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Lovejoy meets Lady Jane Felsham…i could just watch this scene over and overrrrrrrrrr again!!!!!

Best. Photo. Ever: The Office cast after Steve Carell won his Golden Globe in 2006 

"[When] Steve joined us at the party… there was hugging and screaming. Steve told us that he was really touched that we were all there. That’s when we crammed the entire cast into the TV Guide photo booth for the picture with Steve and his Golden Globe. It was a high point of my year and our whole Office journey so far." — Jenna Fischer (x)

Joan Rivers wasn’t the only female comedian to pave the way for female comedians.

There were others like Phyllis Diller

Moms Mabley

Jean Carroll

and Betty White

You know something else? None of these women made racist or rude remarks just for the sake of comedy. Because comedy is so much more than laughing at someone else’s appearance, ethnicity, or sexuality. 

At age 23, British secret agent Phyllis Latour Doyle parachuted into occupied Normandy in May 1944 to gather intelligence on Nazi positions in preparation for D-Day. As an agent for the British Special Operations Executive (SOE), Doyle secretly relayed 135 coded messages to the British military before France’s liberation in August. For seventy years, her contributions to the war effort have been largely unheralded but, last week, the 93-year-old was finally given her due when she was awarded France’s highest honor, the Chevalier of the Legion of Honour. 

Doyle first joined the Women’s Auxiliary Air Force at age 20 in 1941 to work as a flight mechanic but SOE recruiters spotted her potential and offered her a job as a spy. A close family friend, her godmother’s father who she viewed as her grandfather, had been shot by the Nazis and she was eager to support the war effort however she could. Doyle immediately accepted the SOE’s offer and began an intensive training program. In addition to learning about encryption and surveillance, trainees also had to pass grueling physical tests. Doyle described how they were taught by a cat burglar who had been released from jail on “how to get in a high window, and down drain pipes, how to climb over roofs without being caught.”

She first deployed to Aquitaine in Vichy France where she worked for a year as a spy using the codename Genevieve. Her most dangerous mission, however, began on May 1, 1944 when she jumped out of a US Air Force bomber and landed behind enemy lines in Nazi-occupied Normandy. Using the codename Paulette, she posed as a poor teenage French girl. Doyle used a bicycle to tour the region, often under the guise of selling soap, and passed information to the British on Nazi positions using coded messages. In an interview with the New Zealand Army News magazine, she described how risky the mission, noting that “The men who had been sent just before me were caught and executed. I was told I was chosen for that area (of France) because I would arouse less suspicion.”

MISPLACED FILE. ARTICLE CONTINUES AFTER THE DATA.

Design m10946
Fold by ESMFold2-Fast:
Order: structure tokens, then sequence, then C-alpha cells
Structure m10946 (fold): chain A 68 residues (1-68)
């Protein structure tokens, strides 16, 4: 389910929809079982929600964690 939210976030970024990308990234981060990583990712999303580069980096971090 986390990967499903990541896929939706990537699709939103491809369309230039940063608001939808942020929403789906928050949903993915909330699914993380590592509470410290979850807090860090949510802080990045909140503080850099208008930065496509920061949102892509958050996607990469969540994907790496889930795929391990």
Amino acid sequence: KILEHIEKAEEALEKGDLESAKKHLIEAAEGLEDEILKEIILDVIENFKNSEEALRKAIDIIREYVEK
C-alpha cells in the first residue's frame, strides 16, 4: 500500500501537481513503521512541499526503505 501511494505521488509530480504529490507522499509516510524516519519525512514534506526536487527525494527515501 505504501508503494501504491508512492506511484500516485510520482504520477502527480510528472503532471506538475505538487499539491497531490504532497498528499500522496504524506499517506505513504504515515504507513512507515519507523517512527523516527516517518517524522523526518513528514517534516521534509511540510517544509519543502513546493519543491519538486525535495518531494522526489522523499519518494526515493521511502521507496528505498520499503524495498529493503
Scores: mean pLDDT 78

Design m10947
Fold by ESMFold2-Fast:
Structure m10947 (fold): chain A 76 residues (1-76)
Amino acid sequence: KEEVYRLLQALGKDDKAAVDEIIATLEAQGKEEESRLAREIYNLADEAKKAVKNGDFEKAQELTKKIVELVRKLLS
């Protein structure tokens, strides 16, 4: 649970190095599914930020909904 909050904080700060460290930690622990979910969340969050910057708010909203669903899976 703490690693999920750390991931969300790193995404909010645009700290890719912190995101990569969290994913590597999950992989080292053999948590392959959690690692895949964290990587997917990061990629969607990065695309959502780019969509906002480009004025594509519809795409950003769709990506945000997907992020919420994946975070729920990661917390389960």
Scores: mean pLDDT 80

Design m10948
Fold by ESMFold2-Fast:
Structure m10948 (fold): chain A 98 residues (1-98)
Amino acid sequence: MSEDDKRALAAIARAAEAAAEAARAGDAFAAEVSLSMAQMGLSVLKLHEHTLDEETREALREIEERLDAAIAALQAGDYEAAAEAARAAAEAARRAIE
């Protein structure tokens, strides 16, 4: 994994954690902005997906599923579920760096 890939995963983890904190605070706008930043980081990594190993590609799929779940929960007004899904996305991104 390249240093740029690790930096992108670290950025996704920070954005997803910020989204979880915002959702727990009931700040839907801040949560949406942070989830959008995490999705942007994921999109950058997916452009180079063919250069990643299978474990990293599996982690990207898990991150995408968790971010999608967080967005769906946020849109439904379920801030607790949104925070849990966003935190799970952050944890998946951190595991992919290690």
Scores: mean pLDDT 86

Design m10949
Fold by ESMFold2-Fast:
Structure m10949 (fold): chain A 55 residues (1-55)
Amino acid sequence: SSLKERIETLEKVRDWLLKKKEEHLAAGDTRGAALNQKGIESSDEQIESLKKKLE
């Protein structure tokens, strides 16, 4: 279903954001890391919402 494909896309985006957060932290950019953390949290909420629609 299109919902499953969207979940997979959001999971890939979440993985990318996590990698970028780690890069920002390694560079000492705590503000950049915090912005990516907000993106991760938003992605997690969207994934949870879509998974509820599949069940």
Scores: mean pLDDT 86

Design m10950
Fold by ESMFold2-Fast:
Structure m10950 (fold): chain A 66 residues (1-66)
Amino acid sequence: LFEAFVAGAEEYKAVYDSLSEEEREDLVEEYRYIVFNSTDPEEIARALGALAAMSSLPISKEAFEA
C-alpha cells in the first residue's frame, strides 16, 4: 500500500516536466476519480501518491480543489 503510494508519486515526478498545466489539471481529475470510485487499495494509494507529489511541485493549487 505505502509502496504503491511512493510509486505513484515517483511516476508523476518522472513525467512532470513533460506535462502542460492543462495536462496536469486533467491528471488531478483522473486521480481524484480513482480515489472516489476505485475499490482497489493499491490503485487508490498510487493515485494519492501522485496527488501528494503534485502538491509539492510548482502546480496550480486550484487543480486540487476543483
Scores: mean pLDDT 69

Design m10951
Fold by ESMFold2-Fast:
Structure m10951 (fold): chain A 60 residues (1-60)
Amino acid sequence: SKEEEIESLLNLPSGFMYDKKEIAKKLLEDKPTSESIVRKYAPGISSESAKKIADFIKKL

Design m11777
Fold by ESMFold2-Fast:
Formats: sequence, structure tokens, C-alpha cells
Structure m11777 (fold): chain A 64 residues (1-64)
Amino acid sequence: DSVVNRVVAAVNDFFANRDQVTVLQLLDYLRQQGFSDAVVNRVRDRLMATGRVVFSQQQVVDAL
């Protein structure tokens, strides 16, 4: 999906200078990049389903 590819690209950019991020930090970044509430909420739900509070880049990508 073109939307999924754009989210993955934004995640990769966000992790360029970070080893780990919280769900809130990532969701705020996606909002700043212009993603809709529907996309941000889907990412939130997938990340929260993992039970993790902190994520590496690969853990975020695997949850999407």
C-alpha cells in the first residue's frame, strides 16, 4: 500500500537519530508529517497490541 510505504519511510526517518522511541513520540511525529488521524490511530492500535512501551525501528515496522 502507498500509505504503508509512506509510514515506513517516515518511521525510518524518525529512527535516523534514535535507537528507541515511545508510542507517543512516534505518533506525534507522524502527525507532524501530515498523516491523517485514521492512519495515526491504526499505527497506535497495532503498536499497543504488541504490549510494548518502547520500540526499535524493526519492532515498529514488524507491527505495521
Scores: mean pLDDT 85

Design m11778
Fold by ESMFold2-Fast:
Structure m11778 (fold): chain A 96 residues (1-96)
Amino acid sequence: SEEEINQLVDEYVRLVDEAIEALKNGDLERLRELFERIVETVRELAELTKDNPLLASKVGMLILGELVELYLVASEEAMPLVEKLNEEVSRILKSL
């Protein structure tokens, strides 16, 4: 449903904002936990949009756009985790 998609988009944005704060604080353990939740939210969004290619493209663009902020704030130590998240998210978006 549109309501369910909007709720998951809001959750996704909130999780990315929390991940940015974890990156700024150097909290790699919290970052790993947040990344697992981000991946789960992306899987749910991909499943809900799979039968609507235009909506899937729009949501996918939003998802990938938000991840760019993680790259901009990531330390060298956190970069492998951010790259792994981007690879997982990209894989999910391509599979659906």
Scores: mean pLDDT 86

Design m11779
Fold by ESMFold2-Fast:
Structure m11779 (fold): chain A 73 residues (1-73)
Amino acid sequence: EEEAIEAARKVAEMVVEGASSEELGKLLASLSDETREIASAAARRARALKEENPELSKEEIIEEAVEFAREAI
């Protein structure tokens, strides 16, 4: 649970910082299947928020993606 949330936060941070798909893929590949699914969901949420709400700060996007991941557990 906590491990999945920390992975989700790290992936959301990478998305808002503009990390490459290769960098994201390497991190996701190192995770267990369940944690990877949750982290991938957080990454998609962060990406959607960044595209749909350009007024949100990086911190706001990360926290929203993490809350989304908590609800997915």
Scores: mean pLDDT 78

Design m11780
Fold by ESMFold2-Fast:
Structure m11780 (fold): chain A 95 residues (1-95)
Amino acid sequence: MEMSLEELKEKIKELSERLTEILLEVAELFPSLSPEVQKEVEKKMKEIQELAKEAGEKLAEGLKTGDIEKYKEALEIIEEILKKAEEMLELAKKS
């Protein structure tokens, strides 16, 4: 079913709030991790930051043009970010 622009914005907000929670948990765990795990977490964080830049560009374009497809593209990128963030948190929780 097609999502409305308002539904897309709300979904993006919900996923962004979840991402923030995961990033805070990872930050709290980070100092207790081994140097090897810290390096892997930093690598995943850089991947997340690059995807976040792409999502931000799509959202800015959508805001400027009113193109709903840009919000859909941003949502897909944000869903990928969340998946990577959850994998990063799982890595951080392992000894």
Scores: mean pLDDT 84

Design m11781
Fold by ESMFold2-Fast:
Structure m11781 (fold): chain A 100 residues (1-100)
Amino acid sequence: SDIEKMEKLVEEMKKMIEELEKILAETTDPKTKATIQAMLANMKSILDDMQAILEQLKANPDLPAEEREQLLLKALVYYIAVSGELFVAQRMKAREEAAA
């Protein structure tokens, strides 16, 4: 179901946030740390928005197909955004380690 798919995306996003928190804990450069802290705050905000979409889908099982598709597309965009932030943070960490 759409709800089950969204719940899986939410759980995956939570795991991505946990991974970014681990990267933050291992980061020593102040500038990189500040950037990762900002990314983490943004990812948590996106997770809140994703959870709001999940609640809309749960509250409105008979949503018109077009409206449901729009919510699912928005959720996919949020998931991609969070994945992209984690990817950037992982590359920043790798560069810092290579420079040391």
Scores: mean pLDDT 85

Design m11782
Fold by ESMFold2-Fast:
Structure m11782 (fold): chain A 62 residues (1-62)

She also explained how she concealed her codes: “I always carried knitting because my codes were on a piece of silk — I had about 2000 I could use. When I used a code I would just pinprick it to indicate it had gone. I wrapped the piece of silk around a knitting needle and put it in a flat shoe lace which I used to tie my hair up.” Coded messages took a half an hour to send and the Germans could identify where a signal was sent from in an hour and a half so Doyle moved constantly to avoid detection. At times, she stayed with Allied sympathizers but often she had to sleep in forests and forage for food. 

During her months in Normandy, Doyle sent 135 secret messages — invaluable information on Nazi troop positions that was used to help Allied forces prepare for the Normandy landing on D-Day and during the subsequent military campaign. Doyle continued her mission until France’s liberation in August 1944. 

Following the war, Doyle eventually settled in New Zealand where she raised four children. It was only in the past 15 years that she told them about her career as a spy. In presenting the Chevalier of the Legion of Honour to Doyle last week, French Ambassador Laurent Contini commended her courage during the war, stating: “I have deep admiration for her bravery and it will be with great honor that I will present her with the award of Chevalier de l’Ordre National de la Légion d’Honneur, France’s highest decoration.”

To read more about Phyllis Latour Doyle’s incredible story, visit The Telegraph at http://bit.ly/1I1nvi2

The stories of women heroes of WWII are unfortunately rarely told but an incredible recent book makes it easy to introduce a new generation to these extraordinary women: “Women Heroes of World War II: 26 Stories of Espionage, Sabotage, Resistance, and Rescue,” recommended for ages 13 and up, at http://www.amightygirl.com/women-heroes-of-world-war-ii

A complementary book telling the stories of heroic women of WWI was also just released: “Women Heroes of World War I: 16 Remarkable Resisters, Soldiers, Spies, and Medics” at http://www.amightygirl.com/women-heroes-of-world-war-i

For an excellent book about another real-life WWII resistance fighter, British special agent Pearl Witherington, we also recommend “Code Name Pauline,” for ages 12 and up at http://www.amightygirl.com/code-name-pauline 

For two highly recommended novels about women resistance fighters of WWII, both for ages 13 and up, check out “Code Name Verity” (http://www.amightygirl.com/code-name-verity) and “Rose Under Fire” (http://www.amightygirl.com/rose-under-fire). 

To browse our entire collection of stories of girls and women living through the WWII period, including numerous stories related to the Holocaust, visit our “WWII / Holocaust” section at http://www.amightygirl.com/books/history-biography/history-world?cat=186